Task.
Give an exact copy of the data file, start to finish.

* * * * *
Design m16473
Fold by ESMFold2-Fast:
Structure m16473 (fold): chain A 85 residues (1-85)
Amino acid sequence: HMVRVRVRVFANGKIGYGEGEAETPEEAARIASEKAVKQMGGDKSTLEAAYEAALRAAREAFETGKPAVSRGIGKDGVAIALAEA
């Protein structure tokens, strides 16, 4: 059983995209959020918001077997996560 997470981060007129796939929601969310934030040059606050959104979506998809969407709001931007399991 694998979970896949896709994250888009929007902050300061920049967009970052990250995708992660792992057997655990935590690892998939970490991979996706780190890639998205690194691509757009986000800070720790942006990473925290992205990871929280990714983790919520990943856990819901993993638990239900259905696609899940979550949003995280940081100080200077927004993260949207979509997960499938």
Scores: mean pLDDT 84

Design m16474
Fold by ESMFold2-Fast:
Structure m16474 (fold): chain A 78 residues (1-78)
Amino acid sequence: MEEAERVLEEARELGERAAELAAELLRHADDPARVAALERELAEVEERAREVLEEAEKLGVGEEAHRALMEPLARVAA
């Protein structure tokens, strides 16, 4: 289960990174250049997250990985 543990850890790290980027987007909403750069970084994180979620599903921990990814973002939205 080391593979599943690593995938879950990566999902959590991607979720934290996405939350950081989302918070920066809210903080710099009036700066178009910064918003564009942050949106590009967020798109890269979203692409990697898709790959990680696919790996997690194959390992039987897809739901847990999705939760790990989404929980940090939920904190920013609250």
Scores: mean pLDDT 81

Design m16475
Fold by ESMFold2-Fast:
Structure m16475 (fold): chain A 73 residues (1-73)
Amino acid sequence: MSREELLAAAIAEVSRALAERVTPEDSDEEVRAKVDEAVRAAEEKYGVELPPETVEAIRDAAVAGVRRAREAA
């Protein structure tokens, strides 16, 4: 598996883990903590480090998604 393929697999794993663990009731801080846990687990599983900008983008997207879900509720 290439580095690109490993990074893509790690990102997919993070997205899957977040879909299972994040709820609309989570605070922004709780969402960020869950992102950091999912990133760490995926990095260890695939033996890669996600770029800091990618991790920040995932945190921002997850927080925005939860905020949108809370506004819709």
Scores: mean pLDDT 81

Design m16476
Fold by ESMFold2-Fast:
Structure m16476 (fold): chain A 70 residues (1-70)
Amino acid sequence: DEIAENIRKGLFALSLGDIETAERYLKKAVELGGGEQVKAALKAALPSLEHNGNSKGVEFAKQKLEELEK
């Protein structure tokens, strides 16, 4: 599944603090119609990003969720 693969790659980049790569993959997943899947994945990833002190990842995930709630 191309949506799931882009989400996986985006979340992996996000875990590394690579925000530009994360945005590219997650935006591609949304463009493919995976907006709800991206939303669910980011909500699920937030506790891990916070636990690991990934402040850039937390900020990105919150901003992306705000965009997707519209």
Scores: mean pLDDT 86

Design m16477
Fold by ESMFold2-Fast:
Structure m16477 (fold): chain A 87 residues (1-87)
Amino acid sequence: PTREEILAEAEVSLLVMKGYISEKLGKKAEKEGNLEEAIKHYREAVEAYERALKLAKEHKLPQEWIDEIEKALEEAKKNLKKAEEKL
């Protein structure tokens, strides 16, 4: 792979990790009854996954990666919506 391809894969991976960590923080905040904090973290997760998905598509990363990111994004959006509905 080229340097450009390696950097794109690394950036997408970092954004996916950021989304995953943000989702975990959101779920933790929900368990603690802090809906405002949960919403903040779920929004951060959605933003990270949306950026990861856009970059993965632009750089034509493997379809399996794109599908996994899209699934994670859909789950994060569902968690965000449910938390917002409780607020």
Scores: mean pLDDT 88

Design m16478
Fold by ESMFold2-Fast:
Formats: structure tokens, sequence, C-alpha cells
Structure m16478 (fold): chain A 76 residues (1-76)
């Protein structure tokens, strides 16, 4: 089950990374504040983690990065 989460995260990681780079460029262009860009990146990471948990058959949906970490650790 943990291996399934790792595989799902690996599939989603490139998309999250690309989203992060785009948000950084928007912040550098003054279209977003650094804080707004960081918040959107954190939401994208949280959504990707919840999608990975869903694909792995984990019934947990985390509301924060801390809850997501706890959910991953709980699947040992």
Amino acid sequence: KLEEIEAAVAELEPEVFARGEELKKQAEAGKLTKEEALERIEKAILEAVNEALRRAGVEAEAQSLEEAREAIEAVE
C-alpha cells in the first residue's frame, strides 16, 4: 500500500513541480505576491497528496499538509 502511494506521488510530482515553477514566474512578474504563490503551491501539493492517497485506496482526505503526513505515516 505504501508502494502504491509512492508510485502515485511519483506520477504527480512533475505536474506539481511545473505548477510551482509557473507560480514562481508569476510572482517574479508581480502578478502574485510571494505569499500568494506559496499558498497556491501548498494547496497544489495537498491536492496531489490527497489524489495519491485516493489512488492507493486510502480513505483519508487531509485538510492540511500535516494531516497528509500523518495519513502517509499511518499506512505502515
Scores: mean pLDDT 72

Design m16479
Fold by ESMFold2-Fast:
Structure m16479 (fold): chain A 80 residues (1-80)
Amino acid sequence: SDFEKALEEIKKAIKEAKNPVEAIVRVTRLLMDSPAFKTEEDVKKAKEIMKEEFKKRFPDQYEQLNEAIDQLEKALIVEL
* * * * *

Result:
Design m16473
Fold by ESMFold2-Fast:
Structure m16473 (fold): chain A 85 residues (1-85)
Amino acid sequence: HMVRVRVRVFANGKIGYGEGEAETPEEAARIASEKAVKQMGGDKSTLEAAYEAALRAAREAFETGKPAVSRGIGKDGVAIALAEA
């Protein structure tokens, strides 16, 4: 059983995209959020918001077997996560 997470981060007129796939929601969310934030040059606050959104979506998809969407709001931007399991 694998979970896949896709994250888009929007902050300061920049967009970052990250995708992660792992057997655990935590690892998939970490991979996706780190890639998205690194691509757009986000800070720790942006990473925290992205990871929280990714983790919520990943856990819901993993638990239900259905696609899940979550949003995280940081100080200077927004993260949207979509997960499938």
Scores: mean pLDDT 84

Design m16474
Fold by ESMFold2-Fast:
Structure m16474 (fold): chain A 78 residues (1-78)
Amino acid sequence: MEEAERVLEEARELGERAAELAAELLRHADDPARVAALERELAEVEERAREVLEEAEKLGVGEEAHRALMEPLARVAA
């Protein structure tokens, strides 16, 4: 289960990174250049997250990985 543990850890790290980027987007909403750069970084994180979620599903921990990814973002939205 080391593979599943690593995938879950990566999902959590991607979720934290996405939350950081989302918070920066809210903080710099009036700066178009910064918003564009942050949106590009967020798109890269979203692409990697898709790959990680696919790996997690194959390992039987897809739901847990999705939760790990989404929980940090939920904190920013609250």
Scores: mean pLDDT 81

Design m16475
Fold by ESMFold2-Fast:
Structure m16475 (fold): chain A 73 residues (1-73)
Amino acid sequence: MSREELLAAAIAEVSRALAERVTPEDSDEEVRAKVDEAVRAAEEKYGVELPPETVEAIRDAAVAGVRRAREAA
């Protein structure tokens, strides 16, 4: 598996883990903590480090998604 393929697999794993663990009731801080846990687990599983900008983008997207879900509720 290439580095690109490993990074893509790690990102997919993070997205899957977040879909299972994040709820609309989570605070922004709780969402960020869950992102950091999912990133760490995926990095260890695939033996890669996600770029800091990618991790920040995932945190921002997850927080925005939860905020949108809370506004819709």
Scores: mean pLDDT 81

Design m16476
Fold by ESMFold2-Fast:
Structure m16476 (fold): chain A 70 residues (1-70)
Amino acid sequence: DEIAENIRKGLFALSLGDIETAERYLKKAVELGGGEQVKAALKAALPSLEHNGNSKGVEFAKQKLEELEK
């Protein structure tokens, strides 16, 4: 599944603090119609990003969720 693969790659980049790569993959997943899947994945990833002190990842995930709630 191309949506799931882009989400996986985006979340992996996000875990590394690579925000530009994360945005590219997650935006591609949304463009493919995976907006709800991206939303669910980011909500699920937030506790891990916070636990690991990934402040850039937390900020990105919150901003992306705000965009997707519209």
Scores: mean pLDDT 86

Design m16477
Fold by ESMFold2-Fast:
Structure m16477 (fold): chain A 87 residues (1-87)
Amino acid sequence: PTREEILAEAEVSLLVMKGYISEKLGKKAEKEGNLEEAIKHYREAVEAYERALKLAKEHKLPQEWIDEIEKALEEAKKNLKKAEEKL
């Protein structure tokens, strides 16, 4: 792979990790009854996954990666919506 391809894969991976960590923080905040904090973290997760998905598509990363990111994004959006509905 080229340097450009390696950097794109690394950036997408970092954004996916950021989304995953943000989702975990959101779920933790929900368990603690802090809906405002949960919403903040779920929004951060959605933003990270949306950026990861856009970059993965632009750089034509493997379809399996794109599908996994899209699934994670859909789950994060569902968690965000449910938390917002409780607020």
Scores: mean pLDDT 88

Design m16478
Fold by ESMFold2-Fast:
Formats: structure tokens, sequence, C-alpha cells
Structure m16478 (fold): chain A 76 residues (1-76)
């Protein structure tokens, strides 16, 4: 089950990374504040983690990065 989460995260990681780079460029262009860009990146990471948990058959949906970490650790 943990291996399934790792595989799902690996599939989603490139998309999250690309989203992060785009948000950084928007912040550098003054279209977003650094804080707004960081918040959107954190939401994208949280959504990707919840999608990975869903694909792995984990019934947990985390509301924060801390809850997501706890959910991953709980699947040992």
Amino acid sequence: KLEEIEAAVAELEPEVFARGEELKKQAEAGKLTKEEALERIEKAILEAVNEALRRAGVEAEAQSLEEAREAIEAVE
C-alpha cells in the first residue's frame, strides 16, 4: 500500500513541480505576491497528496499538509 502511494506521488510530482515553477514566474512578474504563490503551491501539493492517497485506496482526505503526513505515516 505504501508502494502504491509512492508510485502515485511519483506520477504527480512533475505536474506539481511545473505548477510551482509557473507560480514562481508569476510572482517574479508581480502578478502574485510571494505569499500568494506559496499558498497556491501548498494547496497544489495537498491536492496531489490527497489524489495519491485516493489512488492507493486510502480513505483519508487531509485538510492540511500535516494531516497528509500523518495519513502517509499511518499506512505502515
Scores: mean pLDDT 72

Design m16479
Fold by ESMFold2-Fast:
Structure m16479 (fold): chain A 80 residues (1-80)
Amino acid sequence: SDFEKALEEIKKAIKEAKNPVEAIVRVTRLLMDSPAFKTEEDVKKAKEIMKEEFKKRFPDQYEQLNEAIDQLEKALIVEL